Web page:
Note. If you look back at the output of the example at the end of the previous section, you will see that the fonts are listed with their font numbers replace with NN; this is because, unless overridden by the -N option, font numbers are ignored and hence we do not even want to see them.

Here is the output when we ignore everything we can ignore: checksum, scaling, and font number:
d:\tex\dvii>perl fontdiff.pl -n -s -c test1.dvi test2.dvi
Fonts in test1.dvi NOT in test2.dvi:
------------------------------
f:[NN/cmsl10/SSSS]::70ae304a
------------------------------

Fonts in test2.dvi NOT in test1.dvi:
------------------------------
------------------------------


## C.2   specials.pl

This Perl script takes as it single argument a dvi file and outputs a dvips-style list of pages containing \special's.

Let us look at what happens with our old friend text.dvi. Here is a list of the \special's:
d:\tex\dvii>dvii -s test.dvi
s:[2/2]:: A short special
s:[3/3]::
abcdefghijklmnopqrstuvwxyzABCDEFGHIJKLMNOPQRSTUVWXYZ01234567893.141592
653589793238462643383279502884197169399375105820974944592
s:[4/4]:: PSfile 1.eps
s:[4/4]:: PSfile 2.eps
s:[4/4]:: PSfile 3.EPS
s:[4/4]:: PSfile dog1.gif
s:[4/4]:: PSfile cat.eps
s:[6/-3]:: Some control characters: []

and here is the output from the specials.pl script:
d:\tex\dvii>perl specials.pl test.dvi
-pp2,3,4,-3

You could then take this string and print just the pages containing the \special's using dvips:
d:\tex\dvii>dvips -pp2,3,4,-3 test.dvi

Although the most common \special's encountered are those for including an EPS (Encapsulated Postscript File) figures, and in most cases those are the only \specials's, it may happen that there are pages containing other kinds of \specials's (for example when the document incorporates color). So, how can you get a list of just those pages that have included figures? The answer is to use the --grep option to display only those \special's that contain the string PSfile (the standard indicator of an included EPS file). So, to print only those pages that contain an included EPS figure:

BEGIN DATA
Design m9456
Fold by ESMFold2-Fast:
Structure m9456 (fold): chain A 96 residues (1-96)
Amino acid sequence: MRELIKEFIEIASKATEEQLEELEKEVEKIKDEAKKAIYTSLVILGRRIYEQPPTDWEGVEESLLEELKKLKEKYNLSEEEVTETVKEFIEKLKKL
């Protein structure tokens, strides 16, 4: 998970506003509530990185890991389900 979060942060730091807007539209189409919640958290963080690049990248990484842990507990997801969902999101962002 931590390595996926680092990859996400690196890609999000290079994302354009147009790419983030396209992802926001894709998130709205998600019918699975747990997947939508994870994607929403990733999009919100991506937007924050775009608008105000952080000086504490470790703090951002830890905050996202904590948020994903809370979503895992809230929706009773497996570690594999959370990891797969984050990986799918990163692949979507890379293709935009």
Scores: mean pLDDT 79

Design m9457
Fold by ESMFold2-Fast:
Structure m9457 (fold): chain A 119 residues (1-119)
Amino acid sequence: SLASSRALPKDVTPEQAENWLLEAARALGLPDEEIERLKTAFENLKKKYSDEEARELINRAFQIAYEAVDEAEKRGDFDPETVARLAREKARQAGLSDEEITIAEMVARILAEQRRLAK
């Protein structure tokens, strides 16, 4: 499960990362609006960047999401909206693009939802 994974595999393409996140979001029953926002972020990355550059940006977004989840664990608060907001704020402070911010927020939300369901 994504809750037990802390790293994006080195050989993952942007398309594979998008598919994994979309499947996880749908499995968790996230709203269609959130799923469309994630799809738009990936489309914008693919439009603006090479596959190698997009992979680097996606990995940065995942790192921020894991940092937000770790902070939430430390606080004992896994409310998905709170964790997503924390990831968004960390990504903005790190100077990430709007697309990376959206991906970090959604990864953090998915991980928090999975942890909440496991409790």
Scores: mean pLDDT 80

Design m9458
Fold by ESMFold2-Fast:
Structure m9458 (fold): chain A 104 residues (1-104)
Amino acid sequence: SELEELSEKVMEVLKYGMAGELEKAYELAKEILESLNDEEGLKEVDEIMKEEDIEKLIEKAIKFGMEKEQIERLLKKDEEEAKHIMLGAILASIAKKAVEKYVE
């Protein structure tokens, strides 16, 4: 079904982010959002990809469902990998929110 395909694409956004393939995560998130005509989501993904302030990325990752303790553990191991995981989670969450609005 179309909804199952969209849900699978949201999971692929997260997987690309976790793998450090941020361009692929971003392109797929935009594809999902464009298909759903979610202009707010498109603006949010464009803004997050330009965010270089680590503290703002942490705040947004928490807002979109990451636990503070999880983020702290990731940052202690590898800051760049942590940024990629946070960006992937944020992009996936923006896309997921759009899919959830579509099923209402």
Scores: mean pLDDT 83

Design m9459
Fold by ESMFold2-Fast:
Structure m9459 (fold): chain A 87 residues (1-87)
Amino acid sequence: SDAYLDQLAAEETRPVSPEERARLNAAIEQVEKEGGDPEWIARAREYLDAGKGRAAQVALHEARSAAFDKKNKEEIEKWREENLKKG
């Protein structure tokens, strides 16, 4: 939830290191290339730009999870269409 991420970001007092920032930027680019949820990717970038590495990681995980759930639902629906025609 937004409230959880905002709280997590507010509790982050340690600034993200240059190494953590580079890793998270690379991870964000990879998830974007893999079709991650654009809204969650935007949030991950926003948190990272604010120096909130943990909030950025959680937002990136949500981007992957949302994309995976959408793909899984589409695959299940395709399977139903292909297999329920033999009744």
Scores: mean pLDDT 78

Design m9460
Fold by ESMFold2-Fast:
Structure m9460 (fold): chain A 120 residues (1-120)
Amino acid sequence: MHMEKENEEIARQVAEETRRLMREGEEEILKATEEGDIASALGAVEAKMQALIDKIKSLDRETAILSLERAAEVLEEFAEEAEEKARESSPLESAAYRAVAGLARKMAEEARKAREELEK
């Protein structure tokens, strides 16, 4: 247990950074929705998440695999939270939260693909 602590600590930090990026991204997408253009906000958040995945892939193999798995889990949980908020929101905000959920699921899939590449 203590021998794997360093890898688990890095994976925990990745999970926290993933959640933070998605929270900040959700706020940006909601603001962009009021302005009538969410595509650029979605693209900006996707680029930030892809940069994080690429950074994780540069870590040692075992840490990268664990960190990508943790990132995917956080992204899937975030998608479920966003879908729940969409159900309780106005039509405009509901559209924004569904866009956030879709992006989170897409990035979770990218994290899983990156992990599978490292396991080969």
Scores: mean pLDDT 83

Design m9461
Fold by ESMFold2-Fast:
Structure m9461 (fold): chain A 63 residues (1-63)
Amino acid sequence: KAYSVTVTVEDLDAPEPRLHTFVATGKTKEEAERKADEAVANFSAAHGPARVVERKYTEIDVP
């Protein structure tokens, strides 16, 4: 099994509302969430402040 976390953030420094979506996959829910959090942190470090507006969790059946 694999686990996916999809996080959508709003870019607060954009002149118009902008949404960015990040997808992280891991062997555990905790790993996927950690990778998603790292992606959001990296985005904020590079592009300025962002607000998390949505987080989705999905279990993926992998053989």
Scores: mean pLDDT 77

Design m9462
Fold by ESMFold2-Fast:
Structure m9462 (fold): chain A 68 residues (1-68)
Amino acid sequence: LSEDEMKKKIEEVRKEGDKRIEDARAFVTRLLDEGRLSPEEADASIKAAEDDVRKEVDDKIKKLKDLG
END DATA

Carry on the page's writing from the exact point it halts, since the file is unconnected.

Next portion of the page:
d:\tex\dvii>perl specials.pl --grep PSfile test.dvi
-pp4


## C.3   details.pl

The Perl script details.pl uses the dump opcode option -d of dvii (see section 3.3 to generate opcode statistics. For example, to list the op codes in order of a dvi file, type details.pl -d as in this example:
details.pl -d test

o:pre
o:bop
o:push
o:down3
...
o:post

where ... are the intervening opcodes.

To get statistics on how many times each opcode is called, use the -D option
details.pl -D test

set_char_0:0
set_char_1:0
...
pop:25
right1:0
right2:7
...

(I have only shown a few of the 255 opcodes.)

Finally, if you want a succinct summary of the opcodes used, use the -u option, or no option at all:
details.pl -u test

SUMMARY
Number of characters set (total) : 314
at or below position 127       : 314
above position 127             : 0
Number of rules                  : 1
Number of nops                   : 0
Number of bops                   : 6
Number of eops                   : 6
Number of font changes           : 9
Number of specials               : 8
Number of font definitions       : 3
Number of undefined opcodes      : 0

The Number of characters set'' reflects the total number of characters set, that is, if you were to type this document on a typewriter how many times you would have to hit a key. (Sort of.)

Note that strictly speaking this script could just about as easily use dvitype to do its work, but where is the fun in that?

## C.4   changes.pl

The page difference procedure (see page X) is automated in the changes.pl script. Note that this script needs the file difference utility diff to be available.

Let file1 be the TeX file consisting of
% file1.tex
a\eject b\eject c\eject d\eject e\eject f\end

while file2 is the file
% file2.tex
a\eject b\eject C\eject d\eject e\eject f\end

So, by eye we can see that the two files differ on the third page. If we compile the two files and then use the changes.pl script, we get
changes.pl file1.dvi file2.dvi
4c4
< p:[3/3]::9C8E26478F1B039011D2F28DA18B18CC
---
> p:[3/3]::9C8E26478F1AE39011D2F28DA18B18CC